Besides Realism, Liberalism is one of the greatest schools of knowledge in International Relations. Just like Realism, it is not easy to define Liberalism, for liberals come in many shapes and colors. However, I believe we can point to some core characteristics of liberals in International Relations.
One of the difficulties we find when discussing liberalism in International Relations is the same difficulty we have with Liberalism in general. Different from Marxism, for example, Liberalism is a very broad intellectual tradition, with many different thinkers. Sometimes I ask my students “who is the most important Marxist thinker?”. I hope they will answer Marx! And then I ask “who is the most important liberal thinker?”. Besides that, Liberalism went through a major transformation between the 19th and 20th centuries. One of the ways to make a distinction between the old and the new liberalism is to talk of classical liberalism and modern liberalism. Classical liberalism is very similar to what we call conservatism (or even Realism!). Modern Liberalism is often associated with the Democratic Party in the US.
In any case, I believe that the central tenet of liberalism is the defense of liberty. Liberals (especially classical liberals) believe that if individuals are set free from outside constraints, the natural result is progress. In other words, Liberals have great faith in the possibility of change – positive change. This contrasts with the general pessimism of Realists.
In very practical terms, although they agree with Realists that the International System is anarchic, Liberals see more space for cooperation between states towards a more pacific and prosperous World. Where Realists see competition, Liberals see at least the potential for cooperation. One of the ways that states can cooperate with one another is through shared values. These values can be fleshed into international organizations, such as the UN or the WTO.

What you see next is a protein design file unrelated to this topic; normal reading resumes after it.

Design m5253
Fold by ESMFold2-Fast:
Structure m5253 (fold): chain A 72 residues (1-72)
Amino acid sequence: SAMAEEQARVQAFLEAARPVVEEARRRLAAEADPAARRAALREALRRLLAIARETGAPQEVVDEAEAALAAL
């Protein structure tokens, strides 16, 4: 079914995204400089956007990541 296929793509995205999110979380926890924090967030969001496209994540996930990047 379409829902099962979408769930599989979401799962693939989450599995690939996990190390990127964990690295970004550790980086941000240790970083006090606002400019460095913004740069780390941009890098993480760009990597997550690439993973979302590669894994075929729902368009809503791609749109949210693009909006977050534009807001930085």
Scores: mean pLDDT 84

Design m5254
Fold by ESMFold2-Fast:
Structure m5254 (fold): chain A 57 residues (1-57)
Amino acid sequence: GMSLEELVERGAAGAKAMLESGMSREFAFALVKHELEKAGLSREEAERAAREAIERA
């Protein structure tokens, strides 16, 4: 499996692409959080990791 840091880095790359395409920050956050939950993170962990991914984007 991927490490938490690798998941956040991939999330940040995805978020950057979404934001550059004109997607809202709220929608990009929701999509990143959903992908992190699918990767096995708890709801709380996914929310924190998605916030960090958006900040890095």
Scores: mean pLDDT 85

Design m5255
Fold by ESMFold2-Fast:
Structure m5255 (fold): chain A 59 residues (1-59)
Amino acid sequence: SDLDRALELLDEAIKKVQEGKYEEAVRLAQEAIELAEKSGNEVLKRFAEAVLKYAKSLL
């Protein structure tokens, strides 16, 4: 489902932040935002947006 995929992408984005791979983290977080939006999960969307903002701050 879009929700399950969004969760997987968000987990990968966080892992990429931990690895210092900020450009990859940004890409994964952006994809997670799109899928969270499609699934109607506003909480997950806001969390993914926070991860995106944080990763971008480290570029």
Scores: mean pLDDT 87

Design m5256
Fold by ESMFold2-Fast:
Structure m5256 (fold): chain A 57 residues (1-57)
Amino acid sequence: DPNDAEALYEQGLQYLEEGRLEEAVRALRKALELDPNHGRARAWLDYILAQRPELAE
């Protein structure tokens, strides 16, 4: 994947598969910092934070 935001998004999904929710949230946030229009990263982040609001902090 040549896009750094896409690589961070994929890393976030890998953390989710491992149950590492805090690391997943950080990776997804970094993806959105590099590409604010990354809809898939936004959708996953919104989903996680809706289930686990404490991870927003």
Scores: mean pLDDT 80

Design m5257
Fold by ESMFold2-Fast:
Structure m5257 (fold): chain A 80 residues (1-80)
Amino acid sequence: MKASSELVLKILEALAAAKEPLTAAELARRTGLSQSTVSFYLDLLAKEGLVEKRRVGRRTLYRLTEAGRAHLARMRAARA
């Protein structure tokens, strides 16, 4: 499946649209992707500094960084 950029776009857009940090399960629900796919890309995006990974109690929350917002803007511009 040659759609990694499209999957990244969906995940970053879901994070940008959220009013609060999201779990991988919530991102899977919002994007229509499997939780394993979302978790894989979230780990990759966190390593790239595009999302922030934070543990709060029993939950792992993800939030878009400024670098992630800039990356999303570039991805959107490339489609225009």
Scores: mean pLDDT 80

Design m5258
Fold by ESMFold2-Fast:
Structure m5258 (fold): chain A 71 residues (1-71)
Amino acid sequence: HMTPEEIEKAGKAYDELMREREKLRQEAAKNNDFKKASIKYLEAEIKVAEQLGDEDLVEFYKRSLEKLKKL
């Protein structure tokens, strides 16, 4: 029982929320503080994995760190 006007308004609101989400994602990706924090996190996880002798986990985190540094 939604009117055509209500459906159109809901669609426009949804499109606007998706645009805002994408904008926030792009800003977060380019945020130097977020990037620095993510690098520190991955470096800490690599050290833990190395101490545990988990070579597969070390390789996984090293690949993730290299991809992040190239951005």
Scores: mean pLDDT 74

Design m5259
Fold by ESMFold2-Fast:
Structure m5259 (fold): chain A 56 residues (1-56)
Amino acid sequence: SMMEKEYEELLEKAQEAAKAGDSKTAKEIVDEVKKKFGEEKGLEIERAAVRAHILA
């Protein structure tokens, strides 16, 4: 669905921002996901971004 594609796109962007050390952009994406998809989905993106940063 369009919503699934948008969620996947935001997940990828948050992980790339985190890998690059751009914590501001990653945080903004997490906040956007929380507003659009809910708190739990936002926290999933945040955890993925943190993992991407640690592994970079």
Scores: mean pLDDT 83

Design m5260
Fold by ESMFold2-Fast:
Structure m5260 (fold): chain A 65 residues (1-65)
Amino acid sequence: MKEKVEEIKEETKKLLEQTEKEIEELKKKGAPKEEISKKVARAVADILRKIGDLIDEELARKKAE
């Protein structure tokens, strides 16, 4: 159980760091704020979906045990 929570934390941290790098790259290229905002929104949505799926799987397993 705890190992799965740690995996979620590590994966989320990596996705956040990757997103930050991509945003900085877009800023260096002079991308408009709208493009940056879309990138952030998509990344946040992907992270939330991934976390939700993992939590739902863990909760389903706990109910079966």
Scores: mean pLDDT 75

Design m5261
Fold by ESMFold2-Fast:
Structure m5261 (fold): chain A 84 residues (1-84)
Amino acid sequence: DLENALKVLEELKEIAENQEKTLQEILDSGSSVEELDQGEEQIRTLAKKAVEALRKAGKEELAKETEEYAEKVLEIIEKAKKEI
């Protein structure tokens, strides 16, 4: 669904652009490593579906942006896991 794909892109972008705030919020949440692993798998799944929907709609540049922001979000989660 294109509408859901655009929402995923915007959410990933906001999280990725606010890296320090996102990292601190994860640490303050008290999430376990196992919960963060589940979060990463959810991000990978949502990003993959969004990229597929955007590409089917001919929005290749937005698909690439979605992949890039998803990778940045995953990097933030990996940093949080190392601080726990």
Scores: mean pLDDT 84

In sum, liberals agree on a lot with Realists but have much more hope for international cooperation. I must say that I really want them to be right, but think that they are wrong. Realists seem to have a very strong point when they show how much the anarchy in the international system stops greater cooperation. And Liberals themselves are not waiting for a World government that will somehow solve that. I’m not saying that cooperation and progress are impossible or that they are undesirable. I’m just saying that I’m not convinced that they can happen the way Liberal Theory of International Relations describes.